Home Christian News Docuseries on Black Church Highlights History, Links To Biblical Orthodoxy

Docuseries on Black Church Highlights History, Links To Biblical Orthodoxy

The Rev. Justin Giboney. Photo courtesy of the AND Campaign

(RNS) — A new docuseries featuring Black clergy and scholars aims to explore the resilience of the Black church and highlight how many of its influential members tie their accomplishments in society to their adherence to the Bible.

“How I Got Over,” a five-part series, examines the history of seven historic Black denominations and highlights major Black Christian leaders — well-known and lesser-known — who have contributed to American society. Officials of the AND Campaign, a nonpartisan think tank that promotes Christian civic engagement, are set to release the first episode on YouTube at 8 p.m. Eastern/7 p.m. Central on Monday (Feb. 13).

AND Campaign leaders who are featured in the documentary’s half-hour episodes note that the Black church is not monolithic, pointing out that the Rev. Martin Luther King Jr. was not supported by all Black churches. Black churchgoers are not all progressive or liberal, they observe, but many have long embraced a more conservative Christian orthodoxy.

“Orthodoxy, or true belief in Scripture, doesn’t belong to any one culture,” said the Rev. Justin Giboney, president of the AND Campaign, in an interview with Religion News Service. He said part of the goal of the series is to highlight the conservative theological stances of many Black Christians.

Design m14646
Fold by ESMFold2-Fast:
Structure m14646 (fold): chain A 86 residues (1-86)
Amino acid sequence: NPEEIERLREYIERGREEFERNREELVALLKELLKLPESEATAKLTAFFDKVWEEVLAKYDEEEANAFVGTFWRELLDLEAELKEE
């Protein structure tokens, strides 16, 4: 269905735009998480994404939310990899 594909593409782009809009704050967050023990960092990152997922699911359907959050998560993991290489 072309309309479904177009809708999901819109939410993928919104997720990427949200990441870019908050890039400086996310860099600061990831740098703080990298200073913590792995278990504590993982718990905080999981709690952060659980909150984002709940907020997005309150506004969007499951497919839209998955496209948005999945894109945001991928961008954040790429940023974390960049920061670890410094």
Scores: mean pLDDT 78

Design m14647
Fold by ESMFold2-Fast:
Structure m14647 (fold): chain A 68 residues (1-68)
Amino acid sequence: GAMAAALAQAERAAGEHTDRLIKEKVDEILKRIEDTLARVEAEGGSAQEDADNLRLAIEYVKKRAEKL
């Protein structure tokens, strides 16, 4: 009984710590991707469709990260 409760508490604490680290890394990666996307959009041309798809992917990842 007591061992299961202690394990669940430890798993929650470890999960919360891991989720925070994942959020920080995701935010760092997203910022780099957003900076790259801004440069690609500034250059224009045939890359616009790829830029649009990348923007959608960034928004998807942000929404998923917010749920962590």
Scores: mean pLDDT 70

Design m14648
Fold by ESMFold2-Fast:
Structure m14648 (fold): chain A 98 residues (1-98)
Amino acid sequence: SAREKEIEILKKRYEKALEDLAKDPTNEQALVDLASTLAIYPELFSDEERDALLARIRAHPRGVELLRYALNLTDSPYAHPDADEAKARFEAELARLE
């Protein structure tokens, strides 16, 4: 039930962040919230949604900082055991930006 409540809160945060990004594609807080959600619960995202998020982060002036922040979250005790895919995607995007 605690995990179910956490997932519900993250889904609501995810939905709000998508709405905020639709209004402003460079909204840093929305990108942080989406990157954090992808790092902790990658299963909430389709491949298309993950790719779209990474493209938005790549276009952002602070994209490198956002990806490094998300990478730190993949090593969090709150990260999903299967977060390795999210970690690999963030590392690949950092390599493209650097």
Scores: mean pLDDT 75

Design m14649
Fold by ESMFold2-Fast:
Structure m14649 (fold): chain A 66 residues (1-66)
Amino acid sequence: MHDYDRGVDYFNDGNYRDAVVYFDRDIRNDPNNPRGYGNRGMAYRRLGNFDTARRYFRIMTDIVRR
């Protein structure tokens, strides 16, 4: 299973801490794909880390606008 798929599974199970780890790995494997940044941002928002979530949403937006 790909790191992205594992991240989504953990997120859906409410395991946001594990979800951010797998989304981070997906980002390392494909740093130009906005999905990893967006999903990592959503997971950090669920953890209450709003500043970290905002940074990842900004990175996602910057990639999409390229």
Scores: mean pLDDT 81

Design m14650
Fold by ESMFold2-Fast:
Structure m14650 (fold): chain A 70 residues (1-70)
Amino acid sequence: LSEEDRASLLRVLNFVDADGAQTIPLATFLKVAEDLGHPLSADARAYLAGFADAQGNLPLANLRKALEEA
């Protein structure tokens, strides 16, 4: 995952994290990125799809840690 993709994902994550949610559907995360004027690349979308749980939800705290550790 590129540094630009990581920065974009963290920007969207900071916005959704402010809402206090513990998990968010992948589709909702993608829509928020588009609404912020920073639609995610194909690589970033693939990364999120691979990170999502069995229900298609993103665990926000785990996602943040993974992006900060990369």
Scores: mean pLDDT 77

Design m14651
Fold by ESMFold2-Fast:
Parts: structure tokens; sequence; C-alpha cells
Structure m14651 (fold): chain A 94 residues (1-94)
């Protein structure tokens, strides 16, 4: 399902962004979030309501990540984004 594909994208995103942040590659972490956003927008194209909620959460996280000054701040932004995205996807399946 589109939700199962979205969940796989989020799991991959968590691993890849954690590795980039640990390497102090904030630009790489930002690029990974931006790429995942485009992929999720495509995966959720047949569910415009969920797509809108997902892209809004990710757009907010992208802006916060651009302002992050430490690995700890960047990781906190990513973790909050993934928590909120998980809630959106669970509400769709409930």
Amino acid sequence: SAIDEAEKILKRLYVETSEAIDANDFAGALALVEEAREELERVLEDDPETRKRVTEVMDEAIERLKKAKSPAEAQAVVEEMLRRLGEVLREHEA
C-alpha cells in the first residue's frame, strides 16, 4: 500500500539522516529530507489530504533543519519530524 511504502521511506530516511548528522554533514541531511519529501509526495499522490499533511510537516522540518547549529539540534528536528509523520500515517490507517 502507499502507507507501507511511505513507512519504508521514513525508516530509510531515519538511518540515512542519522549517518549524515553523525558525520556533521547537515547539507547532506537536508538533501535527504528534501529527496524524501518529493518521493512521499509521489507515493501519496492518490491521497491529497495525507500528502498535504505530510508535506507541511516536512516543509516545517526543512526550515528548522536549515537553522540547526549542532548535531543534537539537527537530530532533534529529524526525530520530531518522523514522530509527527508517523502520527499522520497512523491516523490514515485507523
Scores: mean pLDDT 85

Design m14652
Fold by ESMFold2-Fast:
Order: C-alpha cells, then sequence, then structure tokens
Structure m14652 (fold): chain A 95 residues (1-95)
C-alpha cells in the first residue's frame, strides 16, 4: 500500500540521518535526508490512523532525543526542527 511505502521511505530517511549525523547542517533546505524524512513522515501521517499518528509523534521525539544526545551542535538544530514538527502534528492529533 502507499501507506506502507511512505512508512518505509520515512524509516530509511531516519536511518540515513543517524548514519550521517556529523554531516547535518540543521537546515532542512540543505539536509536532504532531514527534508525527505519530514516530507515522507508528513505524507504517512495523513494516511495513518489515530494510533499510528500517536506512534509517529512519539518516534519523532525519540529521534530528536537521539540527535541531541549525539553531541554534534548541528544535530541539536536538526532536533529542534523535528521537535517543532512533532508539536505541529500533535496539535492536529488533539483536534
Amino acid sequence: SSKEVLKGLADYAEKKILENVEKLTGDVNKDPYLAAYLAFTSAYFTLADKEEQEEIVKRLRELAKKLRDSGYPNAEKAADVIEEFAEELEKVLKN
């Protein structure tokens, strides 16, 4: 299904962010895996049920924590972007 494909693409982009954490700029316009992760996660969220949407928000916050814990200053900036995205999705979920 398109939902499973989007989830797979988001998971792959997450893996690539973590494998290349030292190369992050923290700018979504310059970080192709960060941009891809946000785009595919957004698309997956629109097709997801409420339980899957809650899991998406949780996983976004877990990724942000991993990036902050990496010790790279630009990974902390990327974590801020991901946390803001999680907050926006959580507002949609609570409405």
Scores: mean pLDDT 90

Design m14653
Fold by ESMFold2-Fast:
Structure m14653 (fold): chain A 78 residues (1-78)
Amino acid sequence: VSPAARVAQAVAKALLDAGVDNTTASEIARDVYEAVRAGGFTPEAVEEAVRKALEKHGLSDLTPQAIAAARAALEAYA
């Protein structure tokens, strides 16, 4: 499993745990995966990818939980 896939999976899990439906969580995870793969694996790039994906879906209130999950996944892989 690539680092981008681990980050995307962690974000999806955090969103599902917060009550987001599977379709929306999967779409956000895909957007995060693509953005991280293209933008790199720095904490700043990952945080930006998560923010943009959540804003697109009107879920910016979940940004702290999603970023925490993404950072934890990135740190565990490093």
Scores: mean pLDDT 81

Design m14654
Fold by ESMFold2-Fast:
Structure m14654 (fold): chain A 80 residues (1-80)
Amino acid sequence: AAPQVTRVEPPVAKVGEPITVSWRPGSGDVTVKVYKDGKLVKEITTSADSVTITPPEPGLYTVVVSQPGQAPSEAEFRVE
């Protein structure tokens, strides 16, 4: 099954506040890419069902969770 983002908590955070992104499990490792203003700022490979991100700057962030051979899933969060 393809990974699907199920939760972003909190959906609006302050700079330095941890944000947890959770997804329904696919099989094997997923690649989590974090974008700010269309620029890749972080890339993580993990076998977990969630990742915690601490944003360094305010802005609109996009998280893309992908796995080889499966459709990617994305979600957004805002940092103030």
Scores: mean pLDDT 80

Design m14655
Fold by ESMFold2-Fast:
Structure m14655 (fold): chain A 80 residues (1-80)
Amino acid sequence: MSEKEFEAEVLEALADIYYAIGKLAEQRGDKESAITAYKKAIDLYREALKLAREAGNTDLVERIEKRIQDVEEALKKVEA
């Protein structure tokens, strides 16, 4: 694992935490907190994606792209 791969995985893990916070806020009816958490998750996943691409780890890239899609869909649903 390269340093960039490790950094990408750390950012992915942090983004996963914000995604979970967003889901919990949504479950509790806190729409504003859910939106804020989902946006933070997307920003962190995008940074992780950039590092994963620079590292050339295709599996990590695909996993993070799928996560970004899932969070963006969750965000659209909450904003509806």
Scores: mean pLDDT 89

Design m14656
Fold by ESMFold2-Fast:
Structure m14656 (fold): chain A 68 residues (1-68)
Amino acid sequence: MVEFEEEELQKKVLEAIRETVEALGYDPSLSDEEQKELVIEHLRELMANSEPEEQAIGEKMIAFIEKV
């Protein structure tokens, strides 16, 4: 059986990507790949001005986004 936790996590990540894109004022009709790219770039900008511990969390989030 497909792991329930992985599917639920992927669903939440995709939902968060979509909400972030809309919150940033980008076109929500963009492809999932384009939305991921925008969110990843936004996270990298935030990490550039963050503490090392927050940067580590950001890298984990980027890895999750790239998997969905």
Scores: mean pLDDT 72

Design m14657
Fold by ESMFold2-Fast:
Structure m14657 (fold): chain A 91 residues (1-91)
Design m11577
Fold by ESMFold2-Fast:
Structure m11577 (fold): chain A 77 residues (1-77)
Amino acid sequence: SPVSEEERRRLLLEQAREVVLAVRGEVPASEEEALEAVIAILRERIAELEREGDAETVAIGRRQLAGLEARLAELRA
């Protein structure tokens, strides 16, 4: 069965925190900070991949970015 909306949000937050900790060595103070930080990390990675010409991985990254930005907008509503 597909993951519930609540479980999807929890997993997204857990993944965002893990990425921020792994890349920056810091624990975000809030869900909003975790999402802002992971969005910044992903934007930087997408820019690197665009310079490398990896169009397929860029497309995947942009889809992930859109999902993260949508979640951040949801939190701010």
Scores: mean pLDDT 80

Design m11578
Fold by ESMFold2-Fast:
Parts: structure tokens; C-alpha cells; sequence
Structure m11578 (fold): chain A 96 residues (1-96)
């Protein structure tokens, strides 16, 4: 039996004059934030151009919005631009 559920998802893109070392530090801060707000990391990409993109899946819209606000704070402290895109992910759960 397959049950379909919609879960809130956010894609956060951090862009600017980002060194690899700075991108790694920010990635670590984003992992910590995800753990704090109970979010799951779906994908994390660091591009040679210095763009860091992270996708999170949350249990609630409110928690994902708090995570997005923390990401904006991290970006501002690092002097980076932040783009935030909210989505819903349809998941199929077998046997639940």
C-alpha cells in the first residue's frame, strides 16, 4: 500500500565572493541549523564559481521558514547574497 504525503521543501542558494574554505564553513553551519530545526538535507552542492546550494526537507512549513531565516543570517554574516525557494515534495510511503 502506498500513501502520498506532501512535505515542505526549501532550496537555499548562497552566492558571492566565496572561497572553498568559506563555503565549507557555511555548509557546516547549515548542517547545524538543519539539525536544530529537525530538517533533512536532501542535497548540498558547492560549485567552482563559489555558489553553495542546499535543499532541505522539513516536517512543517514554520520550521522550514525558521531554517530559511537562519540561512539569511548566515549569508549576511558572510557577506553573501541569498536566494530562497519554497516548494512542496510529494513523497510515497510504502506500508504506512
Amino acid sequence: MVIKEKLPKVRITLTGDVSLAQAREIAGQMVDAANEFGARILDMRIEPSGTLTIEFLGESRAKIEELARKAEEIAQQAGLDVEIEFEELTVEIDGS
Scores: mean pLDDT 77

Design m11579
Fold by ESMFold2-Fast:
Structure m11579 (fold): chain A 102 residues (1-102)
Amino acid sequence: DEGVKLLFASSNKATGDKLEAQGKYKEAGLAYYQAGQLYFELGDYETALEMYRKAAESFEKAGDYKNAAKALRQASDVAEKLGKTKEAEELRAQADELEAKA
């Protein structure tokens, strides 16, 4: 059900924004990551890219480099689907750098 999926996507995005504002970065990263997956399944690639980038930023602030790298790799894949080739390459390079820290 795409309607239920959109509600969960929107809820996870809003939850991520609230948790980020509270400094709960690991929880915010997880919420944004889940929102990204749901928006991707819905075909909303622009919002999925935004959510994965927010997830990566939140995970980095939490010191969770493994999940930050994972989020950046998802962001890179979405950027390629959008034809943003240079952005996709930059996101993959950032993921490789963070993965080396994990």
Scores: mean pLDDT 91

“What we’re saying is orthodoxy has always been in the Black church. It’s still strong, and we think that’s part of the Black church’s future.”

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In the documentary, the Rev. C.J. Rhodes, pastor of Mount Helm Baptist Church, in Jackson, Mississippi, describes what he calls the “sanctified seven” major Black denominations, divided among three strains of Christianity: Methodist (African Methodist Episcopal Church, African Methodist Episcopal Zion Church and Christian Methodist Episcopal Church), Baptist (National Baptist Convention, USA; National Baptist Convention of America; and Progressive National Baptist Convention) and Pentecostal (Church of God in Christ).

“In today’s moment of the Black church, there’s a lot of overlap and confluence between these three groups, which was a very interesting turn of events, given about 100 years ago they fought vehemently about which one was truer to the biblical witness,” Rhodes said in the first episode.

The series, timed to start during Black History Month, follows another documentary, PBS’ “The Black Church: This Is Our Story, This Is Our Song,” based on a 2021 book by Harvard historian Henry Louis “Skip” Gates Jr. Giboney praised the overall content of that four-hour documentary but said he thought “it did tell us that we need to go left,” and his organization wanted to offer a different perspective.

Giboney said the new series notes that the origins and differences among the plethora of Black denominations were based on “secondary issues” such as baptism, women preachers, speaking in tongues and levels of training.

“We wanted to show the substantive differences between the denominations but also show that the primary arguments were not about orthodoxy,” he said.